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Baldwin's Kentucky Revised Statutes AnnotatedRules of Criminal Procedure

Baldwin's Kentucky Revised Statutes Annotated
Rules of Criminal Procedure
Kentucky Rules of Criminal Procedure (RCr) Refs & annos

Editors' Notes

A. Introduction
1. Derivation and scope
The rules of procedure in criminal cases incorporate refinements of procedural reform without significant departure from the traditional scheme of criminal procedure as outlined in Blackstone's Commentaries, limited in constitutional bills of rights, and enacted in the Criminal Code. A few of the refinements already had become part of the practice as a result of judicial application or changes in other practice, but many improvements universally desired had been unattainable because of rigid requirements of a practice designed more to implement technical concepts than to promote the interests of justice.
The rules were derived from a section by section examination of the 473 sections of the Criminal Code and a comparison of these sections with similar rules in the American Law Institute Code of Criminal Procedure, the Uniform Rules of Criminal Procedure promulgated by the National Conference of Commissioners on Uniform State Laws, recent revisions of the codes of other states, the Kentucky Rules of Civil Procedure, and the Federal Rules of Criminal Procedure. Common law principles and case law applications also were studied, as were related statutes, particularly those that overlapped the code provisions. No changes were made for the sake of change. On the other hand, there was no hesitancy to make a change where it was desirable, as little of the Criminal Code had been reevaluated since 1876.
2. Arrangement
While the arrangement of the rules is very similar to the Criminal Code, changes in scope and form offer much clarification, simplification and condensation. Without changing the practice, the four titles relating to the classification of offenses, jurisdiction and venue, impeachment, and removal of court clerks were eliminated as matters governed by the constitution, statutes or other court rules, or as not essential to general criminal practice. With few changes in the practice, the three titles relating to police courts, justice's courts, prevention of offenses, and habeas corpus were eliminated as covered by other rules or as more properly statutory. The chapters on bill of exceptions and supersedeas bonds were eliminated as a result of substantive changes, as were several series of sections. Recognized ambiguities and anomalies were eliminated, and restatement of the other provisions makes them briefer and groups them in a manner more easily understood. The practice is made more complete in several phases, particularly the production of evidence.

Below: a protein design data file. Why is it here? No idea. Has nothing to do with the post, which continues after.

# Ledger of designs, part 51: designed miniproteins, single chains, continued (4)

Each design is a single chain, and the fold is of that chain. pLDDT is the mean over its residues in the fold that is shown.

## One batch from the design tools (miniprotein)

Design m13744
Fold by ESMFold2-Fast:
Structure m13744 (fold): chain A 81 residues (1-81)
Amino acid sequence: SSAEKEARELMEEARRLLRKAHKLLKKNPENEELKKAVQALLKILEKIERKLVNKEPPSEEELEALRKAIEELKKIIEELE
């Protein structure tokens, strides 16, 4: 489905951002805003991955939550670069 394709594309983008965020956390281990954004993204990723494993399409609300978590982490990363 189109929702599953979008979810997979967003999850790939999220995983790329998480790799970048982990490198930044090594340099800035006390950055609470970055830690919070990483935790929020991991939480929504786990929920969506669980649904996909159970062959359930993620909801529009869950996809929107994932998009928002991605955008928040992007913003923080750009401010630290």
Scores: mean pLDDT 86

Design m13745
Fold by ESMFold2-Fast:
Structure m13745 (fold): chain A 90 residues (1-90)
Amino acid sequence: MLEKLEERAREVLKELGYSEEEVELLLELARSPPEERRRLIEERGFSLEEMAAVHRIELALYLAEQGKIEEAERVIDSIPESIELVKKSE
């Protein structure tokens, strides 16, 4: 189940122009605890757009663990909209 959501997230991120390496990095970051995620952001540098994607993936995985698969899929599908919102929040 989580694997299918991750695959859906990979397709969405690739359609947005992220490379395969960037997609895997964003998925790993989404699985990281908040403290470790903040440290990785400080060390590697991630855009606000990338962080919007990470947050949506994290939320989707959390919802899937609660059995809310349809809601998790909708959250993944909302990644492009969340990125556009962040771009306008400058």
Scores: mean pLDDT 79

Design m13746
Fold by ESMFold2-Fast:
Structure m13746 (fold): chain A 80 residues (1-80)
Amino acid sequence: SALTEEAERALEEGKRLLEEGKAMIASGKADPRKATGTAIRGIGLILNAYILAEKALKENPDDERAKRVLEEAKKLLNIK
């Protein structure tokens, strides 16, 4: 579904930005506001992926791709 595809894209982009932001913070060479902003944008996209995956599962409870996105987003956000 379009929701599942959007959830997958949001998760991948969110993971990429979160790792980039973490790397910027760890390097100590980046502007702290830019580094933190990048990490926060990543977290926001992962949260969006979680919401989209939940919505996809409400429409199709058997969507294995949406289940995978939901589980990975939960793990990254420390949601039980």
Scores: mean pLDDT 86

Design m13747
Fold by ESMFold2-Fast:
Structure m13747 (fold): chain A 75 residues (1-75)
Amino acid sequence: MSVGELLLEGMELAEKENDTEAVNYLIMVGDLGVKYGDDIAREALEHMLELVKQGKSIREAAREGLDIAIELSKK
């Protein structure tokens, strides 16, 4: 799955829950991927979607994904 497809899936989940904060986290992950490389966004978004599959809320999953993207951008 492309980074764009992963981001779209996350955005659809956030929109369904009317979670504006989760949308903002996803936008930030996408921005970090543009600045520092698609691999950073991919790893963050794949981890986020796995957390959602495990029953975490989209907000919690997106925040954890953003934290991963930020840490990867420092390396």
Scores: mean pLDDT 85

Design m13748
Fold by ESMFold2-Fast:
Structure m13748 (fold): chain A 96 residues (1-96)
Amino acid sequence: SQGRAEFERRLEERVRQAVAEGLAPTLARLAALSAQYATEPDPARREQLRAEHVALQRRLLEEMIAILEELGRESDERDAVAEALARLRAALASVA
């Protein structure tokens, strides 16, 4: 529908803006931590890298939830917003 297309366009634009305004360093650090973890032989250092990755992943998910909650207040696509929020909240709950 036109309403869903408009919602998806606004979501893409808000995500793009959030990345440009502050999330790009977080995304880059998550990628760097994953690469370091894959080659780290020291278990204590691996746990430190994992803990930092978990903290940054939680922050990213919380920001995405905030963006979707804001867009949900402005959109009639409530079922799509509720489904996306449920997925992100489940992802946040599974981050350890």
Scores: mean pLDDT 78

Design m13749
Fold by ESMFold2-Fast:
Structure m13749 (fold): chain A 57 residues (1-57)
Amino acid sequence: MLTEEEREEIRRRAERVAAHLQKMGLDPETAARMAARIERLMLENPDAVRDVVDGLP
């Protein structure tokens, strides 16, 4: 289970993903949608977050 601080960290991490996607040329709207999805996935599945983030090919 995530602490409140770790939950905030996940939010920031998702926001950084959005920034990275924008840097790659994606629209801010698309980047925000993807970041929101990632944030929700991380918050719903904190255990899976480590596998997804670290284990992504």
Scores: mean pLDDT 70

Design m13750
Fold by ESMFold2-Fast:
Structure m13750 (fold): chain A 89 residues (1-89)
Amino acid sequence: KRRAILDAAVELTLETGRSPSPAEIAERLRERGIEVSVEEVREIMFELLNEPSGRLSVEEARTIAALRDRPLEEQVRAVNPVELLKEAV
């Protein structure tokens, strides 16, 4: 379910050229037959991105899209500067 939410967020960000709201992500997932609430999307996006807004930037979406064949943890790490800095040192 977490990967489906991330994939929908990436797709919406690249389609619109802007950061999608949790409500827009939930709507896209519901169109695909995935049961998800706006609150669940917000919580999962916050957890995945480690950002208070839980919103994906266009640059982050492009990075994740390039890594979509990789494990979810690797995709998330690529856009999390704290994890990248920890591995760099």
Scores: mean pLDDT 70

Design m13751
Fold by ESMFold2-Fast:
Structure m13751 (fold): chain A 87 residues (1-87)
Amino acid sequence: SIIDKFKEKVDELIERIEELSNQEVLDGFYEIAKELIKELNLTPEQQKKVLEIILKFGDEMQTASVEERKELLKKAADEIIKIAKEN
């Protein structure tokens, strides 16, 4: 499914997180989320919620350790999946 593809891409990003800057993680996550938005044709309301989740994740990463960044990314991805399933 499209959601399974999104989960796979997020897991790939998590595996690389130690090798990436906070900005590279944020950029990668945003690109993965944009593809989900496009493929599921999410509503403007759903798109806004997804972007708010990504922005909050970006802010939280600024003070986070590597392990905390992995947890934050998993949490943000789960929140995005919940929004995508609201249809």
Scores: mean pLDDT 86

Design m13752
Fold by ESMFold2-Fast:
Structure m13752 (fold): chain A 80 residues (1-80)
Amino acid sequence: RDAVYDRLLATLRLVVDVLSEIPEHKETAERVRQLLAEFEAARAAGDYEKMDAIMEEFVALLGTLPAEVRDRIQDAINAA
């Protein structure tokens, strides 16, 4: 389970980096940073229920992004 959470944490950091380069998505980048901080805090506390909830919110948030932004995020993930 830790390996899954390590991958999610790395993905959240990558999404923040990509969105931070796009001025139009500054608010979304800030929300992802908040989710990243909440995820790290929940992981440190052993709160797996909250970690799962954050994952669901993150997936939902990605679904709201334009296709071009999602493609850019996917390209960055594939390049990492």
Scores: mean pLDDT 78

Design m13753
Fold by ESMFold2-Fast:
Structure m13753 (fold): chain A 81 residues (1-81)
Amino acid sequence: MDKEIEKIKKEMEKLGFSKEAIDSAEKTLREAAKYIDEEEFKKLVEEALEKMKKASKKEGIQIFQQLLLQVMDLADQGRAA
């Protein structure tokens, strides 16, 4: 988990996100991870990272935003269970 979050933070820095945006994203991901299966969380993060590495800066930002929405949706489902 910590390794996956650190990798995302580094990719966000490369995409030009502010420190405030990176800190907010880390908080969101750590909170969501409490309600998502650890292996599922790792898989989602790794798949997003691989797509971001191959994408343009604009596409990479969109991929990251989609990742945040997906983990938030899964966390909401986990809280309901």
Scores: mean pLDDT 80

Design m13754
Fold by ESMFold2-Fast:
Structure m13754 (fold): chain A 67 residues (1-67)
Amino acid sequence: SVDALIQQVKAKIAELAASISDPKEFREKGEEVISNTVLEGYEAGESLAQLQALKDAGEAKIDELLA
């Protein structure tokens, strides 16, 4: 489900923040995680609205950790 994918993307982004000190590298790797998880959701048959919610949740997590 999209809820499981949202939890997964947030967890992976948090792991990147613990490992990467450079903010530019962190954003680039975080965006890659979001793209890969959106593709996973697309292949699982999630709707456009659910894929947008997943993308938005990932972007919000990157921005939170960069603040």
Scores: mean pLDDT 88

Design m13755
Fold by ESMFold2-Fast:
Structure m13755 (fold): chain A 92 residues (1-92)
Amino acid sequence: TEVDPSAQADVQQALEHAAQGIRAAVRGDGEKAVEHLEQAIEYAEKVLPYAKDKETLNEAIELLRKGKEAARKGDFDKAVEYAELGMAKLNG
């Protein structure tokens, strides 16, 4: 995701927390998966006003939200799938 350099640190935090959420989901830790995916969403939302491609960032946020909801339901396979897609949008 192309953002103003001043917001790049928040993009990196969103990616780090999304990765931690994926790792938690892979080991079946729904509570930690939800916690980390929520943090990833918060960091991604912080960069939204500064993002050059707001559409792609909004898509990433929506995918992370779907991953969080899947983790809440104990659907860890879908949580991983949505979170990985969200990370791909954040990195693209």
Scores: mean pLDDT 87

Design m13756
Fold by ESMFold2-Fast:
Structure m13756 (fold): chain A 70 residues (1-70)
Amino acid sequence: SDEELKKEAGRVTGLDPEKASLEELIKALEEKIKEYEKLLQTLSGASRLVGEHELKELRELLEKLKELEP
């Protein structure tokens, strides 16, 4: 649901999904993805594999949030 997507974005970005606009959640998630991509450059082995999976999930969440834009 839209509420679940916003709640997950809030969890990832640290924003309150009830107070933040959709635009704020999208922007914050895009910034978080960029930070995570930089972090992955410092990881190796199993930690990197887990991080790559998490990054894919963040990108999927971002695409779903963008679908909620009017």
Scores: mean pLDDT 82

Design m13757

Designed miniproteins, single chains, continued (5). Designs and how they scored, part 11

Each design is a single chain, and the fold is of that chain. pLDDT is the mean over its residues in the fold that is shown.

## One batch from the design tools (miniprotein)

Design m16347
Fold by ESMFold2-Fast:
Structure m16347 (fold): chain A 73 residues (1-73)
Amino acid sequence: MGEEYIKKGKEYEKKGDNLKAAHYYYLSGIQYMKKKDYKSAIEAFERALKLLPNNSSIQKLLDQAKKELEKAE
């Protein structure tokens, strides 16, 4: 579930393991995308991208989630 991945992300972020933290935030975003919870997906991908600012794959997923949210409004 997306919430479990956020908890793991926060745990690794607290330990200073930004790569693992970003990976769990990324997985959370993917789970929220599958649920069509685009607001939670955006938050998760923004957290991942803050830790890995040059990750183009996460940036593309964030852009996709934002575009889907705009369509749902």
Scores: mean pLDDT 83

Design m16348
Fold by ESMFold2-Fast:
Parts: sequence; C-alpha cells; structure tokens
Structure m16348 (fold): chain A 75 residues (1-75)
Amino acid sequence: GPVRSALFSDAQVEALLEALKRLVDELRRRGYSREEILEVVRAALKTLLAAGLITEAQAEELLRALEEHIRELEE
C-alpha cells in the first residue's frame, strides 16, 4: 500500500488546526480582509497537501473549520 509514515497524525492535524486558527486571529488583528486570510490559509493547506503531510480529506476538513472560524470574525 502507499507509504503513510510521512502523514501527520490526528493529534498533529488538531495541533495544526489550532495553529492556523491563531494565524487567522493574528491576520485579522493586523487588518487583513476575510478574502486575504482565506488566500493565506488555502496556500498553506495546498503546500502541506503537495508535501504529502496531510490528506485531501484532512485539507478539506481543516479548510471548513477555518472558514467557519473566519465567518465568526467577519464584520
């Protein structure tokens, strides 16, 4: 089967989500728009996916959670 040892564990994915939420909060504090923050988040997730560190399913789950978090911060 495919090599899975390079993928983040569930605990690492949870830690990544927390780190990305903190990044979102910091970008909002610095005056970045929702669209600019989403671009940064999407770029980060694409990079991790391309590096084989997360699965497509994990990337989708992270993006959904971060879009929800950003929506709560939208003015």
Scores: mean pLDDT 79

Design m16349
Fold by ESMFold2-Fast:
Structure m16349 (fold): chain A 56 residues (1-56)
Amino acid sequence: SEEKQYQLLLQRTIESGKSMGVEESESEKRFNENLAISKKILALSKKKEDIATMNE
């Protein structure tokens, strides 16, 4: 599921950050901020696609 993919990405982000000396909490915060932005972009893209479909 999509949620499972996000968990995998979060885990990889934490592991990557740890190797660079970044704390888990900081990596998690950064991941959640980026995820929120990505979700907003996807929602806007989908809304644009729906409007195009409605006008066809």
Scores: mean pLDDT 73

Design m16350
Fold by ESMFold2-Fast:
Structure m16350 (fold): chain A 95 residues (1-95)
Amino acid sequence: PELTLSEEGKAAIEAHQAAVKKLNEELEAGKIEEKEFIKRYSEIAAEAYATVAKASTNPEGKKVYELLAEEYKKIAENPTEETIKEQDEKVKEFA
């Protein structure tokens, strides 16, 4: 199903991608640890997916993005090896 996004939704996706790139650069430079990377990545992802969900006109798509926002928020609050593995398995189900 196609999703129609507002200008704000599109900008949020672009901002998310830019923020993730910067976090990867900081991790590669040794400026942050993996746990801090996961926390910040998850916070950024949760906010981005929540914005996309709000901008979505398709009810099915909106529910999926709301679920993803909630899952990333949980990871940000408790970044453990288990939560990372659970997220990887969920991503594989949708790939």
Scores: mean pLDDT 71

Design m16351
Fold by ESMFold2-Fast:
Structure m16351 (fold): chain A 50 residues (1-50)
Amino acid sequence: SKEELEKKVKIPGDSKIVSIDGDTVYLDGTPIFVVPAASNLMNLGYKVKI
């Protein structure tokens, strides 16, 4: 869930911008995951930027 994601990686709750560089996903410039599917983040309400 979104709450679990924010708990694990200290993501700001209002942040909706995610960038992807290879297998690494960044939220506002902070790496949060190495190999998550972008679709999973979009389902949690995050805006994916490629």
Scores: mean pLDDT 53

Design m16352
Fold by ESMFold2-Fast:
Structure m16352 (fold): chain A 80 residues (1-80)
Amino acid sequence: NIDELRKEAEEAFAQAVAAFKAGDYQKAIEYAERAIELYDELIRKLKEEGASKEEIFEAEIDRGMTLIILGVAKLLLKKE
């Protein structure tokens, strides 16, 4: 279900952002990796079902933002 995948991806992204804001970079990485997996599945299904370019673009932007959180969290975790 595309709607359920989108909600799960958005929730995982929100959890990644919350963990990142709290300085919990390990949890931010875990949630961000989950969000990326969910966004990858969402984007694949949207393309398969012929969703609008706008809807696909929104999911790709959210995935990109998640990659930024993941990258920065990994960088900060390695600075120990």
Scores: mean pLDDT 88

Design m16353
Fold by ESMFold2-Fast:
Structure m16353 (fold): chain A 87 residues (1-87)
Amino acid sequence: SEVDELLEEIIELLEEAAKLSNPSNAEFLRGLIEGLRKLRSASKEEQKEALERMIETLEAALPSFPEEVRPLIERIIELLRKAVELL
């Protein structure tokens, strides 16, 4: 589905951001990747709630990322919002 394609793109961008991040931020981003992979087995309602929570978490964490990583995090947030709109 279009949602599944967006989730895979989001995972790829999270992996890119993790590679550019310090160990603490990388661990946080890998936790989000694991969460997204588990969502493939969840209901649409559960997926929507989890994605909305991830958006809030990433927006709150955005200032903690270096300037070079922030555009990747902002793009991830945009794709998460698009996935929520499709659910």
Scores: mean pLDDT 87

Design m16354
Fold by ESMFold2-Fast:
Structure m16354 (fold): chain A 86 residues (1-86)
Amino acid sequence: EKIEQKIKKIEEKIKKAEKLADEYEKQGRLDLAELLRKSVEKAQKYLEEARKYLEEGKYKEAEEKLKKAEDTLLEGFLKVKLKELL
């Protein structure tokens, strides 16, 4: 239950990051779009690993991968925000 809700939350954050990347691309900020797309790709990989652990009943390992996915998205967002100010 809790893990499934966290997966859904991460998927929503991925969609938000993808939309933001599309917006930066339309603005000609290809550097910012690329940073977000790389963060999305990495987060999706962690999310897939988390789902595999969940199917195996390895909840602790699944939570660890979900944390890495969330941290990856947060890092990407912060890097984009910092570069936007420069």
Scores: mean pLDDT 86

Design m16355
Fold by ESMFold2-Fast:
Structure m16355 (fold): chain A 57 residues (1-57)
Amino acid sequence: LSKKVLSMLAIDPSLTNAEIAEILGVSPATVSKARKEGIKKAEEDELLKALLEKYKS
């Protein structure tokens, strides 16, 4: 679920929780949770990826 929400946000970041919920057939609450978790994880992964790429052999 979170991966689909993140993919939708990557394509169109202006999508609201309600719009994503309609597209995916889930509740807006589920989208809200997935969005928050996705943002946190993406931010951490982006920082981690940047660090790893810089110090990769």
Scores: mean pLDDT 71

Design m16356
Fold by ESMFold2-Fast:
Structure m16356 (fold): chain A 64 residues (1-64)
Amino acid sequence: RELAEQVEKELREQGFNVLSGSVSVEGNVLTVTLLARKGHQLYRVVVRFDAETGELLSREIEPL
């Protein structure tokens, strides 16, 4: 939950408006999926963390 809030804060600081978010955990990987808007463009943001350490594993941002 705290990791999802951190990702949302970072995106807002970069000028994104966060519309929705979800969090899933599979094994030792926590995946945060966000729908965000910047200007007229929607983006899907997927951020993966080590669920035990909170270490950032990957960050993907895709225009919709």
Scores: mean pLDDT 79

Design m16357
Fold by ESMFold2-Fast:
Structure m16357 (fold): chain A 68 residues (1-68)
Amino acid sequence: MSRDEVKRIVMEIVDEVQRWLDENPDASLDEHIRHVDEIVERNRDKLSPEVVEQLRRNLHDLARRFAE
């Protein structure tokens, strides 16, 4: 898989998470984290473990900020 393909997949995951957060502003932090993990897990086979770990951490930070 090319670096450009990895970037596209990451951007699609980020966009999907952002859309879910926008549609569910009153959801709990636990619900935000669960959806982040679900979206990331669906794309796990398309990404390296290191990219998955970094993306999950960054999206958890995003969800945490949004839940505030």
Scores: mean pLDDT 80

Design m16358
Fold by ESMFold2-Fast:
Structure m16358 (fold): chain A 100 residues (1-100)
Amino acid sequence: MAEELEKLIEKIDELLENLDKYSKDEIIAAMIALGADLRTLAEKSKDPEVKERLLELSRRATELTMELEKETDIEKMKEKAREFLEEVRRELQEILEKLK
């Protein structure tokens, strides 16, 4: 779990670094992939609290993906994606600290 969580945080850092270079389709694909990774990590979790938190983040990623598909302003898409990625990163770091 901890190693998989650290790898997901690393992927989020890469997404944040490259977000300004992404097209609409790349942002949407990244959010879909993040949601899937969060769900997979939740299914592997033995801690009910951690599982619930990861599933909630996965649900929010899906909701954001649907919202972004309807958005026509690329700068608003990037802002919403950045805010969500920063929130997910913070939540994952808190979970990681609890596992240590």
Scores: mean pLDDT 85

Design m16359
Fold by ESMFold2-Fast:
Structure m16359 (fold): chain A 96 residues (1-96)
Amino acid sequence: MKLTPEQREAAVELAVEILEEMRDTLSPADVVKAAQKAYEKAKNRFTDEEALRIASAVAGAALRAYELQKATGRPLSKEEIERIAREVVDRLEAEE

B. Synopsis of Changes in Practice
The form of the rules makes the changes in substance seem greater than they are. Except as to the requirements for indictments and the pleading practice, most of the changes are not major. There are many changes in detail but some are for the sole purpose of reducing unnecessary differences between civil and criminal practice, and between state and federal courts. The summary of changes here presents only those changes that are significant.
1. General provisions
All criminal proceedings will be governed by rules designed to obtain better administration of justice. Penal actions are not recognized as a separate class, but governed entirely by the criminal rules.
2. Arrest
Institution of the complaint as a charging instrument is basically a formalization of existing practice but, with the change allowing magistrates to issue summons in felony cases, and officers to issue citations in any misdemeanor, should result in more complete satisfaction of constitutional requirements and fewer physical arrests. The taking of bail by arresting officers is eliminated and an immediate hearing required in all cases.
3. Preliminary hearings
Prescribing the alternative of an inferior court trial, and incidental powers to require peace bonds, does not change the practice, but a requirement that makes a full transcript of recorded testimony available to the defendant is intended to insure fair play at this stage of the proceedings.
4. Bail
The change to allow the making of one bail bond for appearance at all stages of the proceedings should reduce administrative steps and remove what in many cases is a hardship on defendants. It will be possible for a case to originate in magistrate's court, be tried in circuit court either de novo or upon an indictment, and be retried following a reversal by the Court of Appeals while the defendant remains on bail through execution of two bonds, one at the beginning and the other following his conviction in circuit court. Provisions for broader qualifications and better justification of sureties, and more effective forfeiture procedures, should do much to reduce abuses in bond making. Standards governing the amount of bail are prescribed for the first time, and changes in provisions governing deposit of money and surrender of principal modernize the practice considerably.